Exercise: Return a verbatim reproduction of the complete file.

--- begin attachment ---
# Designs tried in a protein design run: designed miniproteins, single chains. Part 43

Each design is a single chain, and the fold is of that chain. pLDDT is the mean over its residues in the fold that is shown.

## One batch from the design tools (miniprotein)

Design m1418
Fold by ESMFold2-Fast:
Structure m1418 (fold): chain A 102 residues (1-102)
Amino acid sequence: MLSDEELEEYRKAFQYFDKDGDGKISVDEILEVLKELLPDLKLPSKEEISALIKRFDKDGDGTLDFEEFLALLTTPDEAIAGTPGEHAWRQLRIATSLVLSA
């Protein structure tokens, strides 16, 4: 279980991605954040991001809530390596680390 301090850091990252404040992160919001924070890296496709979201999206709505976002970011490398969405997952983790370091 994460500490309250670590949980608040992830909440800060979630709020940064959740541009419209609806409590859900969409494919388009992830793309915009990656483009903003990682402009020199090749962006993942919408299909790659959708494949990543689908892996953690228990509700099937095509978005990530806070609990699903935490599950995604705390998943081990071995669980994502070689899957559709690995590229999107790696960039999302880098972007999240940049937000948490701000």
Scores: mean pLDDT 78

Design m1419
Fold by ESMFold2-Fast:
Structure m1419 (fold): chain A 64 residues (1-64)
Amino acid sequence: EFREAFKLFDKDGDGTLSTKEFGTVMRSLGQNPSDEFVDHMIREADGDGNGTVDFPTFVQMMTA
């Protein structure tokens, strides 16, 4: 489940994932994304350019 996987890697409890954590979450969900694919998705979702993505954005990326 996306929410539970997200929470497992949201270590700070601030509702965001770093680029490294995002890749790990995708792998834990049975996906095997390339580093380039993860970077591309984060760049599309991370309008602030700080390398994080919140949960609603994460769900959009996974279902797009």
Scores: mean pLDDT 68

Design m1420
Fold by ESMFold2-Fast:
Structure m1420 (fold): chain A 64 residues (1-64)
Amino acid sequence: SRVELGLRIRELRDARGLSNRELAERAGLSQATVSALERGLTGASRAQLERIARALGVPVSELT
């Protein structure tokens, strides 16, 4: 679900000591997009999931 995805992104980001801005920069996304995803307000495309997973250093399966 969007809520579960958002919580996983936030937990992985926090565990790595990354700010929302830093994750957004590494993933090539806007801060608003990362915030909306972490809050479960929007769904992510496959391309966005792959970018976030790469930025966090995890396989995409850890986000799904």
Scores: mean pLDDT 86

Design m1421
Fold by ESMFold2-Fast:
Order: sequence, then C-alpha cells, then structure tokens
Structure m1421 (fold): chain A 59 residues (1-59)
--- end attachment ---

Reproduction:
# Designs tried in a protein design run: designed miniproteins, single chains. Part 43

Each design is a single chain, and the fold is of that chain. pLDDT is the mean over its residues in the fold that is shown.

## One batch from the design tools (miniprotein)

Design m1418
Fold by ESMFold2-Fast:
Structure m1418 (fold): chain A 102 residues (1-102)
Amino acid sequence: MLSDEELEEYRKAFQYFDKDGDGKISVDEILEVLKELLPDLKLPSKEEISALIKRFDKDGDGTLDFEEFLALLTTPDEAIAGTPGEHAWRQLRIATSLVLSA
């Protein structure tokens, strides 16, 4: 279980991605954040991001809530390596680390 301090850091990252404040992160919001924070890296496709979201999206709505976002970011490398969405997952983790370091 994460500490309250670590949980608040992830909440800060979630709020940064959740541009419209609806409590859900969409494919388009992830793309915009990656483009903003990682402009020199090749962006993942919408299909790659959708494949990543689908892996953690228990509700099937095509978005990530806070609990699903935490599950995604705390998943081990071995669980994502070689899957559709690995590229999107790696960039999302880098972007999240940049937000948490701000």
Scores: mean pLDDT 78

Design m1419
Fold by ESMFold2-Fast:
Structure m1419 (fold): chain A 64 residues (1-64)
Amino acid sequence: EFREAFKLFDKDGDGTLSTKEFGTVMRSLGQNPSDEFVDHMIREADGDGNGTVDFPTFVQMMTA
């Protein structure tokens, strides 16, 4: 489940994932994304350019 996987890697409890954590979450969900694919998705979702993505954005990326 996306929410539970997200929470497992949201270590700070601030509702965001770093680029490294995002890749790990995708792998834990049975996906095997390339580093380039993860970077591309984060760049599309991370309008602030700080390398994080919140949960609603994460769900959009996974279902797009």
Scores: mean pLDDT 68

Design m1420
Fold by ESMFold2-Fast:
Structure m1420 (fold): chain A 64 residues (1-64)
Amino acid sequence: SRVELGLRIRELRDARGLSNRELAERAGLSQATVSALERGLTGASRAQLERIARALGVPVSELT
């Protein structure tokens, strides 16, 4: 679900000591997009999931 995805992104980001801005920069996304995803307000495309997973250093399966 969007809520579960958002919580996983936030937990992985926090565990790595990354700010929302830093994750957004590494993933090539806007801060608003990362915030909306972490809050479960929007769904992510496959391309966005792959970018976030790469930025966090995890396989995409850890986000799904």
Scores: mean pLDDT 86

Design m1421
Fold by ESMFold2-Fast:
Order: sequence, then C-alpha cells, then structure tokens
Structure m1421 (fold): chain A 59 residues (1-59)